Rescuers worked all night with cranes and jackhammers to clear
concrete slabs and steel girders from the 100-meter (110-yard)
length of the overpass that broke off suddenly and crashed down on
pedestrians and vehicles on the road below.
Ninety were rescued, many with serious trauma injuries, but chances
of finding survivors in the wreckage had dwindled nearly a full day
after Thursday's disaster in a teeming commercial district near the
city's Girish Park.
"It is being ensured that there are no more dead bodies under the
debris," S.S. Guleria, a deputy inspector general of the National
Disaster Response Force, told Reuters Television.
Television channels broadcast images of a street scene with two
autorickshaws and a crowd of people suddenly obliterated by a mass
of falling concrete that narrowly missed cars crawling in a traffic
Chief Minister Mamata Banerjee, whose center-left party is seeking
re-election next month in the state of West Bengal, said those
responsible would not be spared and blamed the previous state
government that had awarded the overpass contract in 2007.
Yet she herself faces questions about a construction project that
has been plagued by delays and safety fears under her rule.
A newspaper reported last November that Banerjee wanted the overpass
- already five years overdue - to be completed by February. Project
engineers expressed concerns over whether this would be possible,
the Telegraph newspaper said at the time.
The disaster could play a role in the election in West Bengal, whose
capital is Kolkata. The poll is one of five being held this month
that will give an interim verdict on Prime Minister Narendra Modi's
nearly two years in power.
Indian company IVRCL <IVRC.NS> was building the 2-km (1.2-mile)
Vivekananda Road overpass, according to its web site. Its shares
fell another 6 percent on Friday as police announced they had opened
a case of culpable homicide.
The local offices of IVRCL were sealed and a police team was on its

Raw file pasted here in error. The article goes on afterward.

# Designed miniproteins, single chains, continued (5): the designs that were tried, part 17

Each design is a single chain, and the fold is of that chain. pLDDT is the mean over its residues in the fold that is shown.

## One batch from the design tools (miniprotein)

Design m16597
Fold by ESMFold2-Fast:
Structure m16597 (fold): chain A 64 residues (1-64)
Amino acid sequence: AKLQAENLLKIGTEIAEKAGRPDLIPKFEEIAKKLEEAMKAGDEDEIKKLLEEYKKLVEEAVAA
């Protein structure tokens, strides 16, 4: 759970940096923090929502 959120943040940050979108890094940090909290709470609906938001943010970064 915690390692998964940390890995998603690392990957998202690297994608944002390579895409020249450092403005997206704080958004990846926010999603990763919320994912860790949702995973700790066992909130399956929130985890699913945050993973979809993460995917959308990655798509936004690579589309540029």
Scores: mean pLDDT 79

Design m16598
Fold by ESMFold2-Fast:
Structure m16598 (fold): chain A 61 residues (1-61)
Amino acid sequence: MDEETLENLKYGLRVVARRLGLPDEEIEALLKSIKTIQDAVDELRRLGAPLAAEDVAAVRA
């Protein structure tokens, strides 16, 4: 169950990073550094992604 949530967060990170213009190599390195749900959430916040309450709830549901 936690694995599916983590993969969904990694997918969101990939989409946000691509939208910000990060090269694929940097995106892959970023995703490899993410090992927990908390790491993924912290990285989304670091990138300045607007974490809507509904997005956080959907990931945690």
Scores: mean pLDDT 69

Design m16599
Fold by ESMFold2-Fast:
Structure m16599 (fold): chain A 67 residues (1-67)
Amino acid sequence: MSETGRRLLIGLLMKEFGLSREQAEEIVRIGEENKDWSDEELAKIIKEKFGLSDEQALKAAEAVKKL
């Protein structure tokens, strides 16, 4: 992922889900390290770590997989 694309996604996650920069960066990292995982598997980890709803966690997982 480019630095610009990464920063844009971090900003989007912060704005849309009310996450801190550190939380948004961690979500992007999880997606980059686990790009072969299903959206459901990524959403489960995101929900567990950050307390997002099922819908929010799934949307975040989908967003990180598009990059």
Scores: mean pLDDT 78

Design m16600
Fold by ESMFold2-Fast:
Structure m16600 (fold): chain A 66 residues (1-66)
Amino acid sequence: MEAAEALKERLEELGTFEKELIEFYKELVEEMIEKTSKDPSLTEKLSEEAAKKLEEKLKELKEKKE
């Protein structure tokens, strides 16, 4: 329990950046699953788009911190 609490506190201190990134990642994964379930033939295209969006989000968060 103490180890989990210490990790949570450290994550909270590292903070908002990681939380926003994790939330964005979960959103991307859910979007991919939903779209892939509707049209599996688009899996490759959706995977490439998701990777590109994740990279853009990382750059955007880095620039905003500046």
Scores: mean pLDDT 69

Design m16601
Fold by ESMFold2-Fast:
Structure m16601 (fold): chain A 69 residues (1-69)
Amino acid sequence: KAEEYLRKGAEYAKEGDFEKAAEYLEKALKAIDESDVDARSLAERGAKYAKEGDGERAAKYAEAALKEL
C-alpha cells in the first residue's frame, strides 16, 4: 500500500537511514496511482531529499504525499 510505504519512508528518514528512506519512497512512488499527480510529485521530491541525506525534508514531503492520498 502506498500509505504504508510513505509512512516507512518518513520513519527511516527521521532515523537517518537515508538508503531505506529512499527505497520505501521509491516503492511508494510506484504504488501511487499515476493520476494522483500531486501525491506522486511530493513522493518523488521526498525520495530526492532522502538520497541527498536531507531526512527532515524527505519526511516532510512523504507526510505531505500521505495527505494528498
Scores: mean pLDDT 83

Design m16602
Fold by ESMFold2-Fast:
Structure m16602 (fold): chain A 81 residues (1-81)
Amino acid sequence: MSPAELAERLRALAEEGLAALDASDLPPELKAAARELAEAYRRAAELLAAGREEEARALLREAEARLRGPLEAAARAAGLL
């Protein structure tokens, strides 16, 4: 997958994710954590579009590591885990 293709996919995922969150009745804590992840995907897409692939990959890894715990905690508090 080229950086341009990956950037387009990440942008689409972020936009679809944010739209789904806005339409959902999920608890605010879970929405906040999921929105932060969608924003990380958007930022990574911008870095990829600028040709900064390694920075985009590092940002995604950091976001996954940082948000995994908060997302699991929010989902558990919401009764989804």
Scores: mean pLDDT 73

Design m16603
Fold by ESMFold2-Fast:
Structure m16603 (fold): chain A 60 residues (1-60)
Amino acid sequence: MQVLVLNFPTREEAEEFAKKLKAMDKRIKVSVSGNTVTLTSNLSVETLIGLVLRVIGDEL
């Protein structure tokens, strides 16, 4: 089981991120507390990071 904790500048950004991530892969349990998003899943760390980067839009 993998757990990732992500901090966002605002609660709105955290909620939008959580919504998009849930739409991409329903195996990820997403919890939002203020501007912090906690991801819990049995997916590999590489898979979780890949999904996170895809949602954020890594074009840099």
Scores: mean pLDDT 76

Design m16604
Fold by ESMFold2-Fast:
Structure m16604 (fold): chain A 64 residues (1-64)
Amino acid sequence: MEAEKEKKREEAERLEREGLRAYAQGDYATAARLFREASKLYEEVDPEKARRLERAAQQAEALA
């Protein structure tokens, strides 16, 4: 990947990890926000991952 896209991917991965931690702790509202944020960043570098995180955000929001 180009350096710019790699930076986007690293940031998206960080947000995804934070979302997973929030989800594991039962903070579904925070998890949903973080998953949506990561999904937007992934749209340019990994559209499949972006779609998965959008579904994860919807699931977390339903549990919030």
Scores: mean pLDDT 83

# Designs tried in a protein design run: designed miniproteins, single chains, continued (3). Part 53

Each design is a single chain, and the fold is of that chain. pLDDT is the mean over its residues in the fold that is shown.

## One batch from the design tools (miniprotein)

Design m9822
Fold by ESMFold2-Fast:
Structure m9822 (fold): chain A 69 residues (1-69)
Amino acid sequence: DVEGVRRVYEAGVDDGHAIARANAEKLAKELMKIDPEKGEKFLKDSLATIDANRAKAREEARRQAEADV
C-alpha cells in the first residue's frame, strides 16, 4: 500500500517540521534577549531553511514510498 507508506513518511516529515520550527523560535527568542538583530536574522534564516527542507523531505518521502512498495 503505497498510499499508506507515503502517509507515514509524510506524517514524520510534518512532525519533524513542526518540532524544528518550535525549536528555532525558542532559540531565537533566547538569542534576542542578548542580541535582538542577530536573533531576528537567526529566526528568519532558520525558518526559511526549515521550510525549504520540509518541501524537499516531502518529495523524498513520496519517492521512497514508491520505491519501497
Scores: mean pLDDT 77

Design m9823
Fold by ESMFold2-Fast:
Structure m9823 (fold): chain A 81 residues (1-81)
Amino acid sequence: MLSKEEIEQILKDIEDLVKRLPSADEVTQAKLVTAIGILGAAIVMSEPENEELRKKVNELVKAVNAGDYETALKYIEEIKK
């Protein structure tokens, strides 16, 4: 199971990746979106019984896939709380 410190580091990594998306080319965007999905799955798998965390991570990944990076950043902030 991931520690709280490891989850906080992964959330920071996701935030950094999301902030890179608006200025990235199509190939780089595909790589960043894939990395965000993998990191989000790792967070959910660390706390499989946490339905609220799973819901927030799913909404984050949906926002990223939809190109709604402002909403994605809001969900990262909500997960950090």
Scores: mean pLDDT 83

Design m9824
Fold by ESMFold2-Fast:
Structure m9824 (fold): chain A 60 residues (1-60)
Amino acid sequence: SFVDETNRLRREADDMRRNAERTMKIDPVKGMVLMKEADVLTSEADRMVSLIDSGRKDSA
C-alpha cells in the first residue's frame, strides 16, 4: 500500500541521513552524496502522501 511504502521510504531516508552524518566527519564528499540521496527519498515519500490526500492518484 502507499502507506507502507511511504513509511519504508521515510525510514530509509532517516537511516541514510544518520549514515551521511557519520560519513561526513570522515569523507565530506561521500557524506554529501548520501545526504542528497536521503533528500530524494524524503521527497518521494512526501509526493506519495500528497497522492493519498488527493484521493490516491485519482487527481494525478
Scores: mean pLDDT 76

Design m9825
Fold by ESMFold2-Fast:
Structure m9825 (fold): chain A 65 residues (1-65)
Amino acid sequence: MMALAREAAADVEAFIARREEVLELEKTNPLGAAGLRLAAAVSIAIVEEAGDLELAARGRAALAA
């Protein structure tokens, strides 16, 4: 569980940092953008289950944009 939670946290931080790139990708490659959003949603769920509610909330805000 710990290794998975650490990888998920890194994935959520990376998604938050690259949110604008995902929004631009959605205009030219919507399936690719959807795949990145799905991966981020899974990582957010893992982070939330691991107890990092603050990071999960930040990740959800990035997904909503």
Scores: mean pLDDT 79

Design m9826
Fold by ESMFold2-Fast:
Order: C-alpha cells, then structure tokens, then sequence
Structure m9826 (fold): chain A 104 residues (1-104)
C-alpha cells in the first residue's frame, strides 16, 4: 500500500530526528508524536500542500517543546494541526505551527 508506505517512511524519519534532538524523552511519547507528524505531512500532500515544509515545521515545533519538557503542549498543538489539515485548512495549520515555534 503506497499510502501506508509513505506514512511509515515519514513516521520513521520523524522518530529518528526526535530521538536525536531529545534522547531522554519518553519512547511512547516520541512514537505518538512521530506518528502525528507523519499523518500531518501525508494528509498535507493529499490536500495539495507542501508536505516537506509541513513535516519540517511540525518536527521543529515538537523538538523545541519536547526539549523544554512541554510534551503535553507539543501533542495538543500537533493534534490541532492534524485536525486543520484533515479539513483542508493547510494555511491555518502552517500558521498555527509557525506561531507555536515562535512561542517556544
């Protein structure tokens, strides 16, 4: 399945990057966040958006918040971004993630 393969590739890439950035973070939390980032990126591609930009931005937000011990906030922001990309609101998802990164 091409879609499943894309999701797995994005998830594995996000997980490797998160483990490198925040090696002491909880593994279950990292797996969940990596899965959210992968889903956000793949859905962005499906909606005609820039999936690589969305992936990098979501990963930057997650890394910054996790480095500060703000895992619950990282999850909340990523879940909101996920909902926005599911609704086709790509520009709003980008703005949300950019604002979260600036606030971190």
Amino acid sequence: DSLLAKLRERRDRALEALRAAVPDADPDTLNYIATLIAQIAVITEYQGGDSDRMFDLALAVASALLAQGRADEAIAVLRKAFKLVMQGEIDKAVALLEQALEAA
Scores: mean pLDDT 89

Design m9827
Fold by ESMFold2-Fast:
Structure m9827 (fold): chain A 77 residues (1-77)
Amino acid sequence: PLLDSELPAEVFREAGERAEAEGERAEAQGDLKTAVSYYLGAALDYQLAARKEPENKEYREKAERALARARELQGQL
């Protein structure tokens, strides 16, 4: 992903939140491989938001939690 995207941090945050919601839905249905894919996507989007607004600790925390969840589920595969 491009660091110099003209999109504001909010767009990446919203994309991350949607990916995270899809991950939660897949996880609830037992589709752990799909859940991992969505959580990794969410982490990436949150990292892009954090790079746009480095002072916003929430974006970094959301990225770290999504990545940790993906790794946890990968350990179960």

way to interview bosses at the company's headquarters in the
southern city of Hyderabad, according to reports.
A senior IVRCL manager had drawn national condemnation for calling
the disaster an act of God.
"We did not use any inferior quality
material and we will cooperate with the investigators," the
company's director of operations, A.G.K. Murthy told reporters on
Thursday. "We are in a state of shock."
[to top of second column]
Years of delays may have caused corrosion to metal elements of the
overpass, undermining its stability, according to rescuers who
examined the wreckage. Locals said that concrete was poured on the
stretch the night before its collapse.
Rescue operations were slow initially, with local residents forming
crowds several deep as they tried to help trapped people.
But three cranes working overnight managed to clear some of the
wreckage and free access to vehicles with people believed to be
still trapped inside.
Harrowing news images showed the leg and arm of one dead man
protruding from under a massive steel girder. The broken leg of an
unconscious man flapped uselessly as rescuers gripped his other
three limbs to carry him away.
Getting survivors to hospital was complicated by a lack of access
for ambulances to the overpass, hemmed in by buildings on either
side. Safety standards were lax, witnesses said.
"Every night, hundreds of laborers would build the flyover and they
would cook and sleep near the site by day," said Ravindra Kumar
Gupta, a grocer who pulled out six bodies, together with his
"The government wanted to complete the flyover before the elections
and the laborers were working on a tight deadline. Maybe the hasty
construction led to the collapse."
(Additional reporting by Rupam Jain; Writing by Douglas Busvine;
Editing by Clarence Fernandez)
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